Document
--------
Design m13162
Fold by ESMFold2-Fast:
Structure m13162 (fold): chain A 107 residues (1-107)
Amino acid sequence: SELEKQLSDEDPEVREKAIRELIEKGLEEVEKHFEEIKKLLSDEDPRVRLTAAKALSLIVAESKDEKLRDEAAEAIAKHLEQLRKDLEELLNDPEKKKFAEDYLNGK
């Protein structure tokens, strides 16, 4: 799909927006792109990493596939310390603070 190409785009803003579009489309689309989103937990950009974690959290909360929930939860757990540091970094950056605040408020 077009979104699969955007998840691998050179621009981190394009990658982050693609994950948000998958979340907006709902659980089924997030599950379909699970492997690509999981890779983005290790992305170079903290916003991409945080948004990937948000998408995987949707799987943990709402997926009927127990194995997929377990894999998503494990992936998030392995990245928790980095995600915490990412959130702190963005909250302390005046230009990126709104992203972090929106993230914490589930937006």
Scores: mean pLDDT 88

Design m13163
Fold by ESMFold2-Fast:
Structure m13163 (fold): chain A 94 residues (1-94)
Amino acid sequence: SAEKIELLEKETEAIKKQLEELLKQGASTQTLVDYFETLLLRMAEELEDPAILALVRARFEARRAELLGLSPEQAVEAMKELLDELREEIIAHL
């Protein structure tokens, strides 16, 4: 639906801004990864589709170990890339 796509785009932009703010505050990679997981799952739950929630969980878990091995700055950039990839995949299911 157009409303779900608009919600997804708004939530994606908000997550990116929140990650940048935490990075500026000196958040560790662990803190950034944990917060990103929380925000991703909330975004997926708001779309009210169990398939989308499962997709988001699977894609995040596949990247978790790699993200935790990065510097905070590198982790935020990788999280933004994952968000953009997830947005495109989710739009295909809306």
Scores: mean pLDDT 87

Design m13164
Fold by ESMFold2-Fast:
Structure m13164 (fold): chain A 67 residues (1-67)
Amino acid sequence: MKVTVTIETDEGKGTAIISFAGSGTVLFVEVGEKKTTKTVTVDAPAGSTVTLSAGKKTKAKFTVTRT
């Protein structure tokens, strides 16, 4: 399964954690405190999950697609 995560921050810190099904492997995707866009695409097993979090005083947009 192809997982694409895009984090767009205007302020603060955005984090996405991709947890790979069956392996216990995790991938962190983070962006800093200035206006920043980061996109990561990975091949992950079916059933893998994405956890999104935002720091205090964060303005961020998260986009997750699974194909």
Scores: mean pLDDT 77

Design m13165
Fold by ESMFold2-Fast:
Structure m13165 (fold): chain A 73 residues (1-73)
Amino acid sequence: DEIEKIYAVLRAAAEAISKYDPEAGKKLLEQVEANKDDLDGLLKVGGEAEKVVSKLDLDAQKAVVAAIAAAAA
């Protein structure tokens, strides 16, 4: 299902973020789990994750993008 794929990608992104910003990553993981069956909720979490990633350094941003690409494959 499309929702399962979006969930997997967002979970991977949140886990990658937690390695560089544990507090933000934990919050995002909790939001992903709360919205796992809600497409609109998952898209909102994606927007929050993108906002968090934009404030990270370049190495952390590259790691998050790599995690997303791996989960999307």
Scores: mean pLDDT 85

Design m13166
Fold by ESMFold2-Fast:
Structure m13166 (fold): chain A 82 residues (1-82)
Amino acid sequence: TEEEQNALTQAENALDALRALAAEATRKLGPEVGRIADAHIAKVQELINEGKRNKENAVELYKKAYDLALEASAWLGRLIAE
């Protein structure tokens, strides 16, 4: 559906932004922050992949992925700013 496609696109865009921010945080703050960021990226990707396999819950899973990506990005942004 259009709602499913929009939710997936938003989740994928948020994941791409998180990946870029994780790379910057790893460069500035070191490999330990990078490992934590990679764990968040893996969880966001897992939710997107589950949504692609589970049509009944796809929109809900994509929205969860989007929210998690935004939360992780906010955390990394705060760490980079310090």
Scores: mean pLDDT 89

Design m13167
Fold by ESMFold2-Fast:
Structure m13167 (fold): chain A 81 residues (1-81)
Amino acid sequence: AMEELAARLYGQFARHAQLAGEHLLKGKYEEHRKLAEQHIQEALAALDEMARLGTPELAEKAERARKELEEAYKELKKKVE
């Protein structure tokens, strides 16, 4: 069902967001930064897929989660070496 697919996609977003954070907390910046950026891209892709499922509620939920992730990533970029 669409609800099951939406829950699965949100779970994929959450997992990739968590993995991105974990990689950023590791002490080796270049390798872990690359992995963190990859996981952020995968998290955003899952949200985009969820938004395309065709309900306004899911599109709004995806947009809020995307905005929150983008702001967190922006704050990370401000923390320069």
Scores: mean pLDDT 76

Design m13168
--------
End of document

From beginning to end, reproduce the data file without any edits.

Design m13162
Fold by ESMFold2-Fast:
Structure m13162 (fold): chain A 107 residues (1-107)
Amino acid sequence: SELEKQLSDEDPEVREKAIRELIEKGLEEVEKHFEEIKKLLSDEDPRVRLTAAKALSLIVAESKDEKLRDEAAEAIAKHLEQLRKDLEELLNDPEKKKFAEDYLNGK
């Protein structure tokens, strides 16, 4: 799909927006792109990493596939310390603070 190409785009803003579009489309689309989103937990950009974690959290909360929930939860757990540091970094950056605040408020 077009979104699969955007998840691998050179621009981190394009990658982050693609994950948000998958979340907006709902659980089924997030599950379909699970492997690509999981890779983005290790992305170079903290916003991409945080948004990937948000998408995987949707799987943990709402997926009927127990194995997929377990894999998503494990992936998030392995990245928790980095995600915490990412959130702190963005909250302390005046230009990126709104992203972090929106993230914490589930937006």
Scores: mean pLDDT 88

Design m13163
Fold by ESMFold2-Fast:
Structure m13163 (fold): chain A 94 residues (1-94)
Amino acid sequence: SAEKIELLEKETEAIKKQLEELLKQGASTQTLVDYFETLLLRMAEELEDPAILALVRARFEARRAELLGLSPEQAVEAMKELLDELREEIIAHL
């Protein structure tokens, strides 16, 4: 639906801004990864589709170990890339 796509785009932009703010505050990679997981799952739950929630969980878990091995700055950039990839995949299911 157009409303779900608009919600997804708004939530994606908000997550990116929140990650940048935490990075500026000196958040560790662990803190950034944990917060990103929380925000991703909330975004997926708001779309009210169990398939989308499962997709988001699977894609995040596949990247978790790699993200935790990065510097905070590198982790935020990788999280933004994952968000953009997830947005495109989710739009295909809306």
Scores: mean pLDDT 87

Design m13164
Fold by ESMFold2-Fast:
Structure m13164 (fold): chain A 67 residues (1-67)
Amino acid sequence: MKVTVTIETDEGKGTAIISFAGSGTVLFVEVGEKKTTKTVTVDAPAGSTVTLSAGKKTKAKFTVTRT
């Protein structure tokens, strides 16, 4: 399964954690405190999950697609 995560921050810190099904492997995707866009695409097993979090005083947009 192809997982694409895009984090767009205007302020603060955005984090996405991709947890790979069956392996216990995790991938962190983070962006800093200035206006920043980061996109990561990975091949992950079916059933893998994405956890999104935002720091205090964060303005961020998260986009997750699974194909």
Scores: mean pLDDT 77

Design m13165
Fold by ESMFold2-Fast:
Structure m13165 (fold): chain A 73 residues (1-73)
Amino acid sequence: DEIEKIYAVLRAAAEAISKYDPEAGKKLLEQVEANKDDLDGLLKVGGEAEKVVSKLDLDAQKAVVAAIAAAAA
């Protein structure tokens, strides 16, 4: 299902973020789990994750993008 794929990608992104910003990553993981069956909720979490990633350094941003690409494959 499309929702399962979006969930997997967002979970991977949140886990990658937690390695560089544990507090933000934990919050995002909790939001992903709360919205796992809600497409609109998952898209909102994606927007929050993108906002968090934009404030990270370049190495952390590259790691998050790599995690997303791996989960999307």
Scores: mean pLDDT 85

Design m13166
Fold by ESMFold2-Fast:
Structure m13166 (fold): chain A 82 residues (1-82)
Amino acid sequence: TEEEQNALTQAENALDALRALAAEATRKLGPEVGRIADAHIAKVQELINEGKRNKENAVELYKKAYDLALEASAWLGRLIAE
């Protein structure tokens, strides 16, 4: 559906932004922050992949992925700013 496609696109865009921010945080703050960021990226990707396999819950899973990506990005942004 259009709602499913929009939710997936938003989740994928948020994941791409998180990946870029994780790379910057790893460069500035070191490999330990990078490992934590990679764990968040893996969880966001897992939710997107589950949504692609589970049509009944796809929109809900994509929205969860989007929210998690935004939360992780906010955390990394705060760490980079310090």
Scores: mean pLDDT 89

Design m13167
Fold by ESMFold2-Fast:
Structure m13167 (fold): chain A 81 residues (1-81)
Amino acid sequence: AMEELAARLYGQFARHAQLAGEHLLKGKYEEHRKLAEQHIQEALAALDEMARLGTPELAEKAERARKELEEAYKELKKKVE
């Protein structure tokens, strides 16, 4: 069902967001930064897929989660070496 697919996609977003954070907390910046950026891209892709499922509620939920992730990533970029 669409609800099951939406829950699965949100779970994929959450997992990739968590993995991105974990990689950023590791002490080796270049390798872990690359992995963190990859996981952020995968998290955003899952949200985009969820938004395309065709309900306004899911599109709004995806947009809020995307905005929150983008702001967190922006704050990370401000923390320069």
Scores: mean pLDDT 76

Design m13168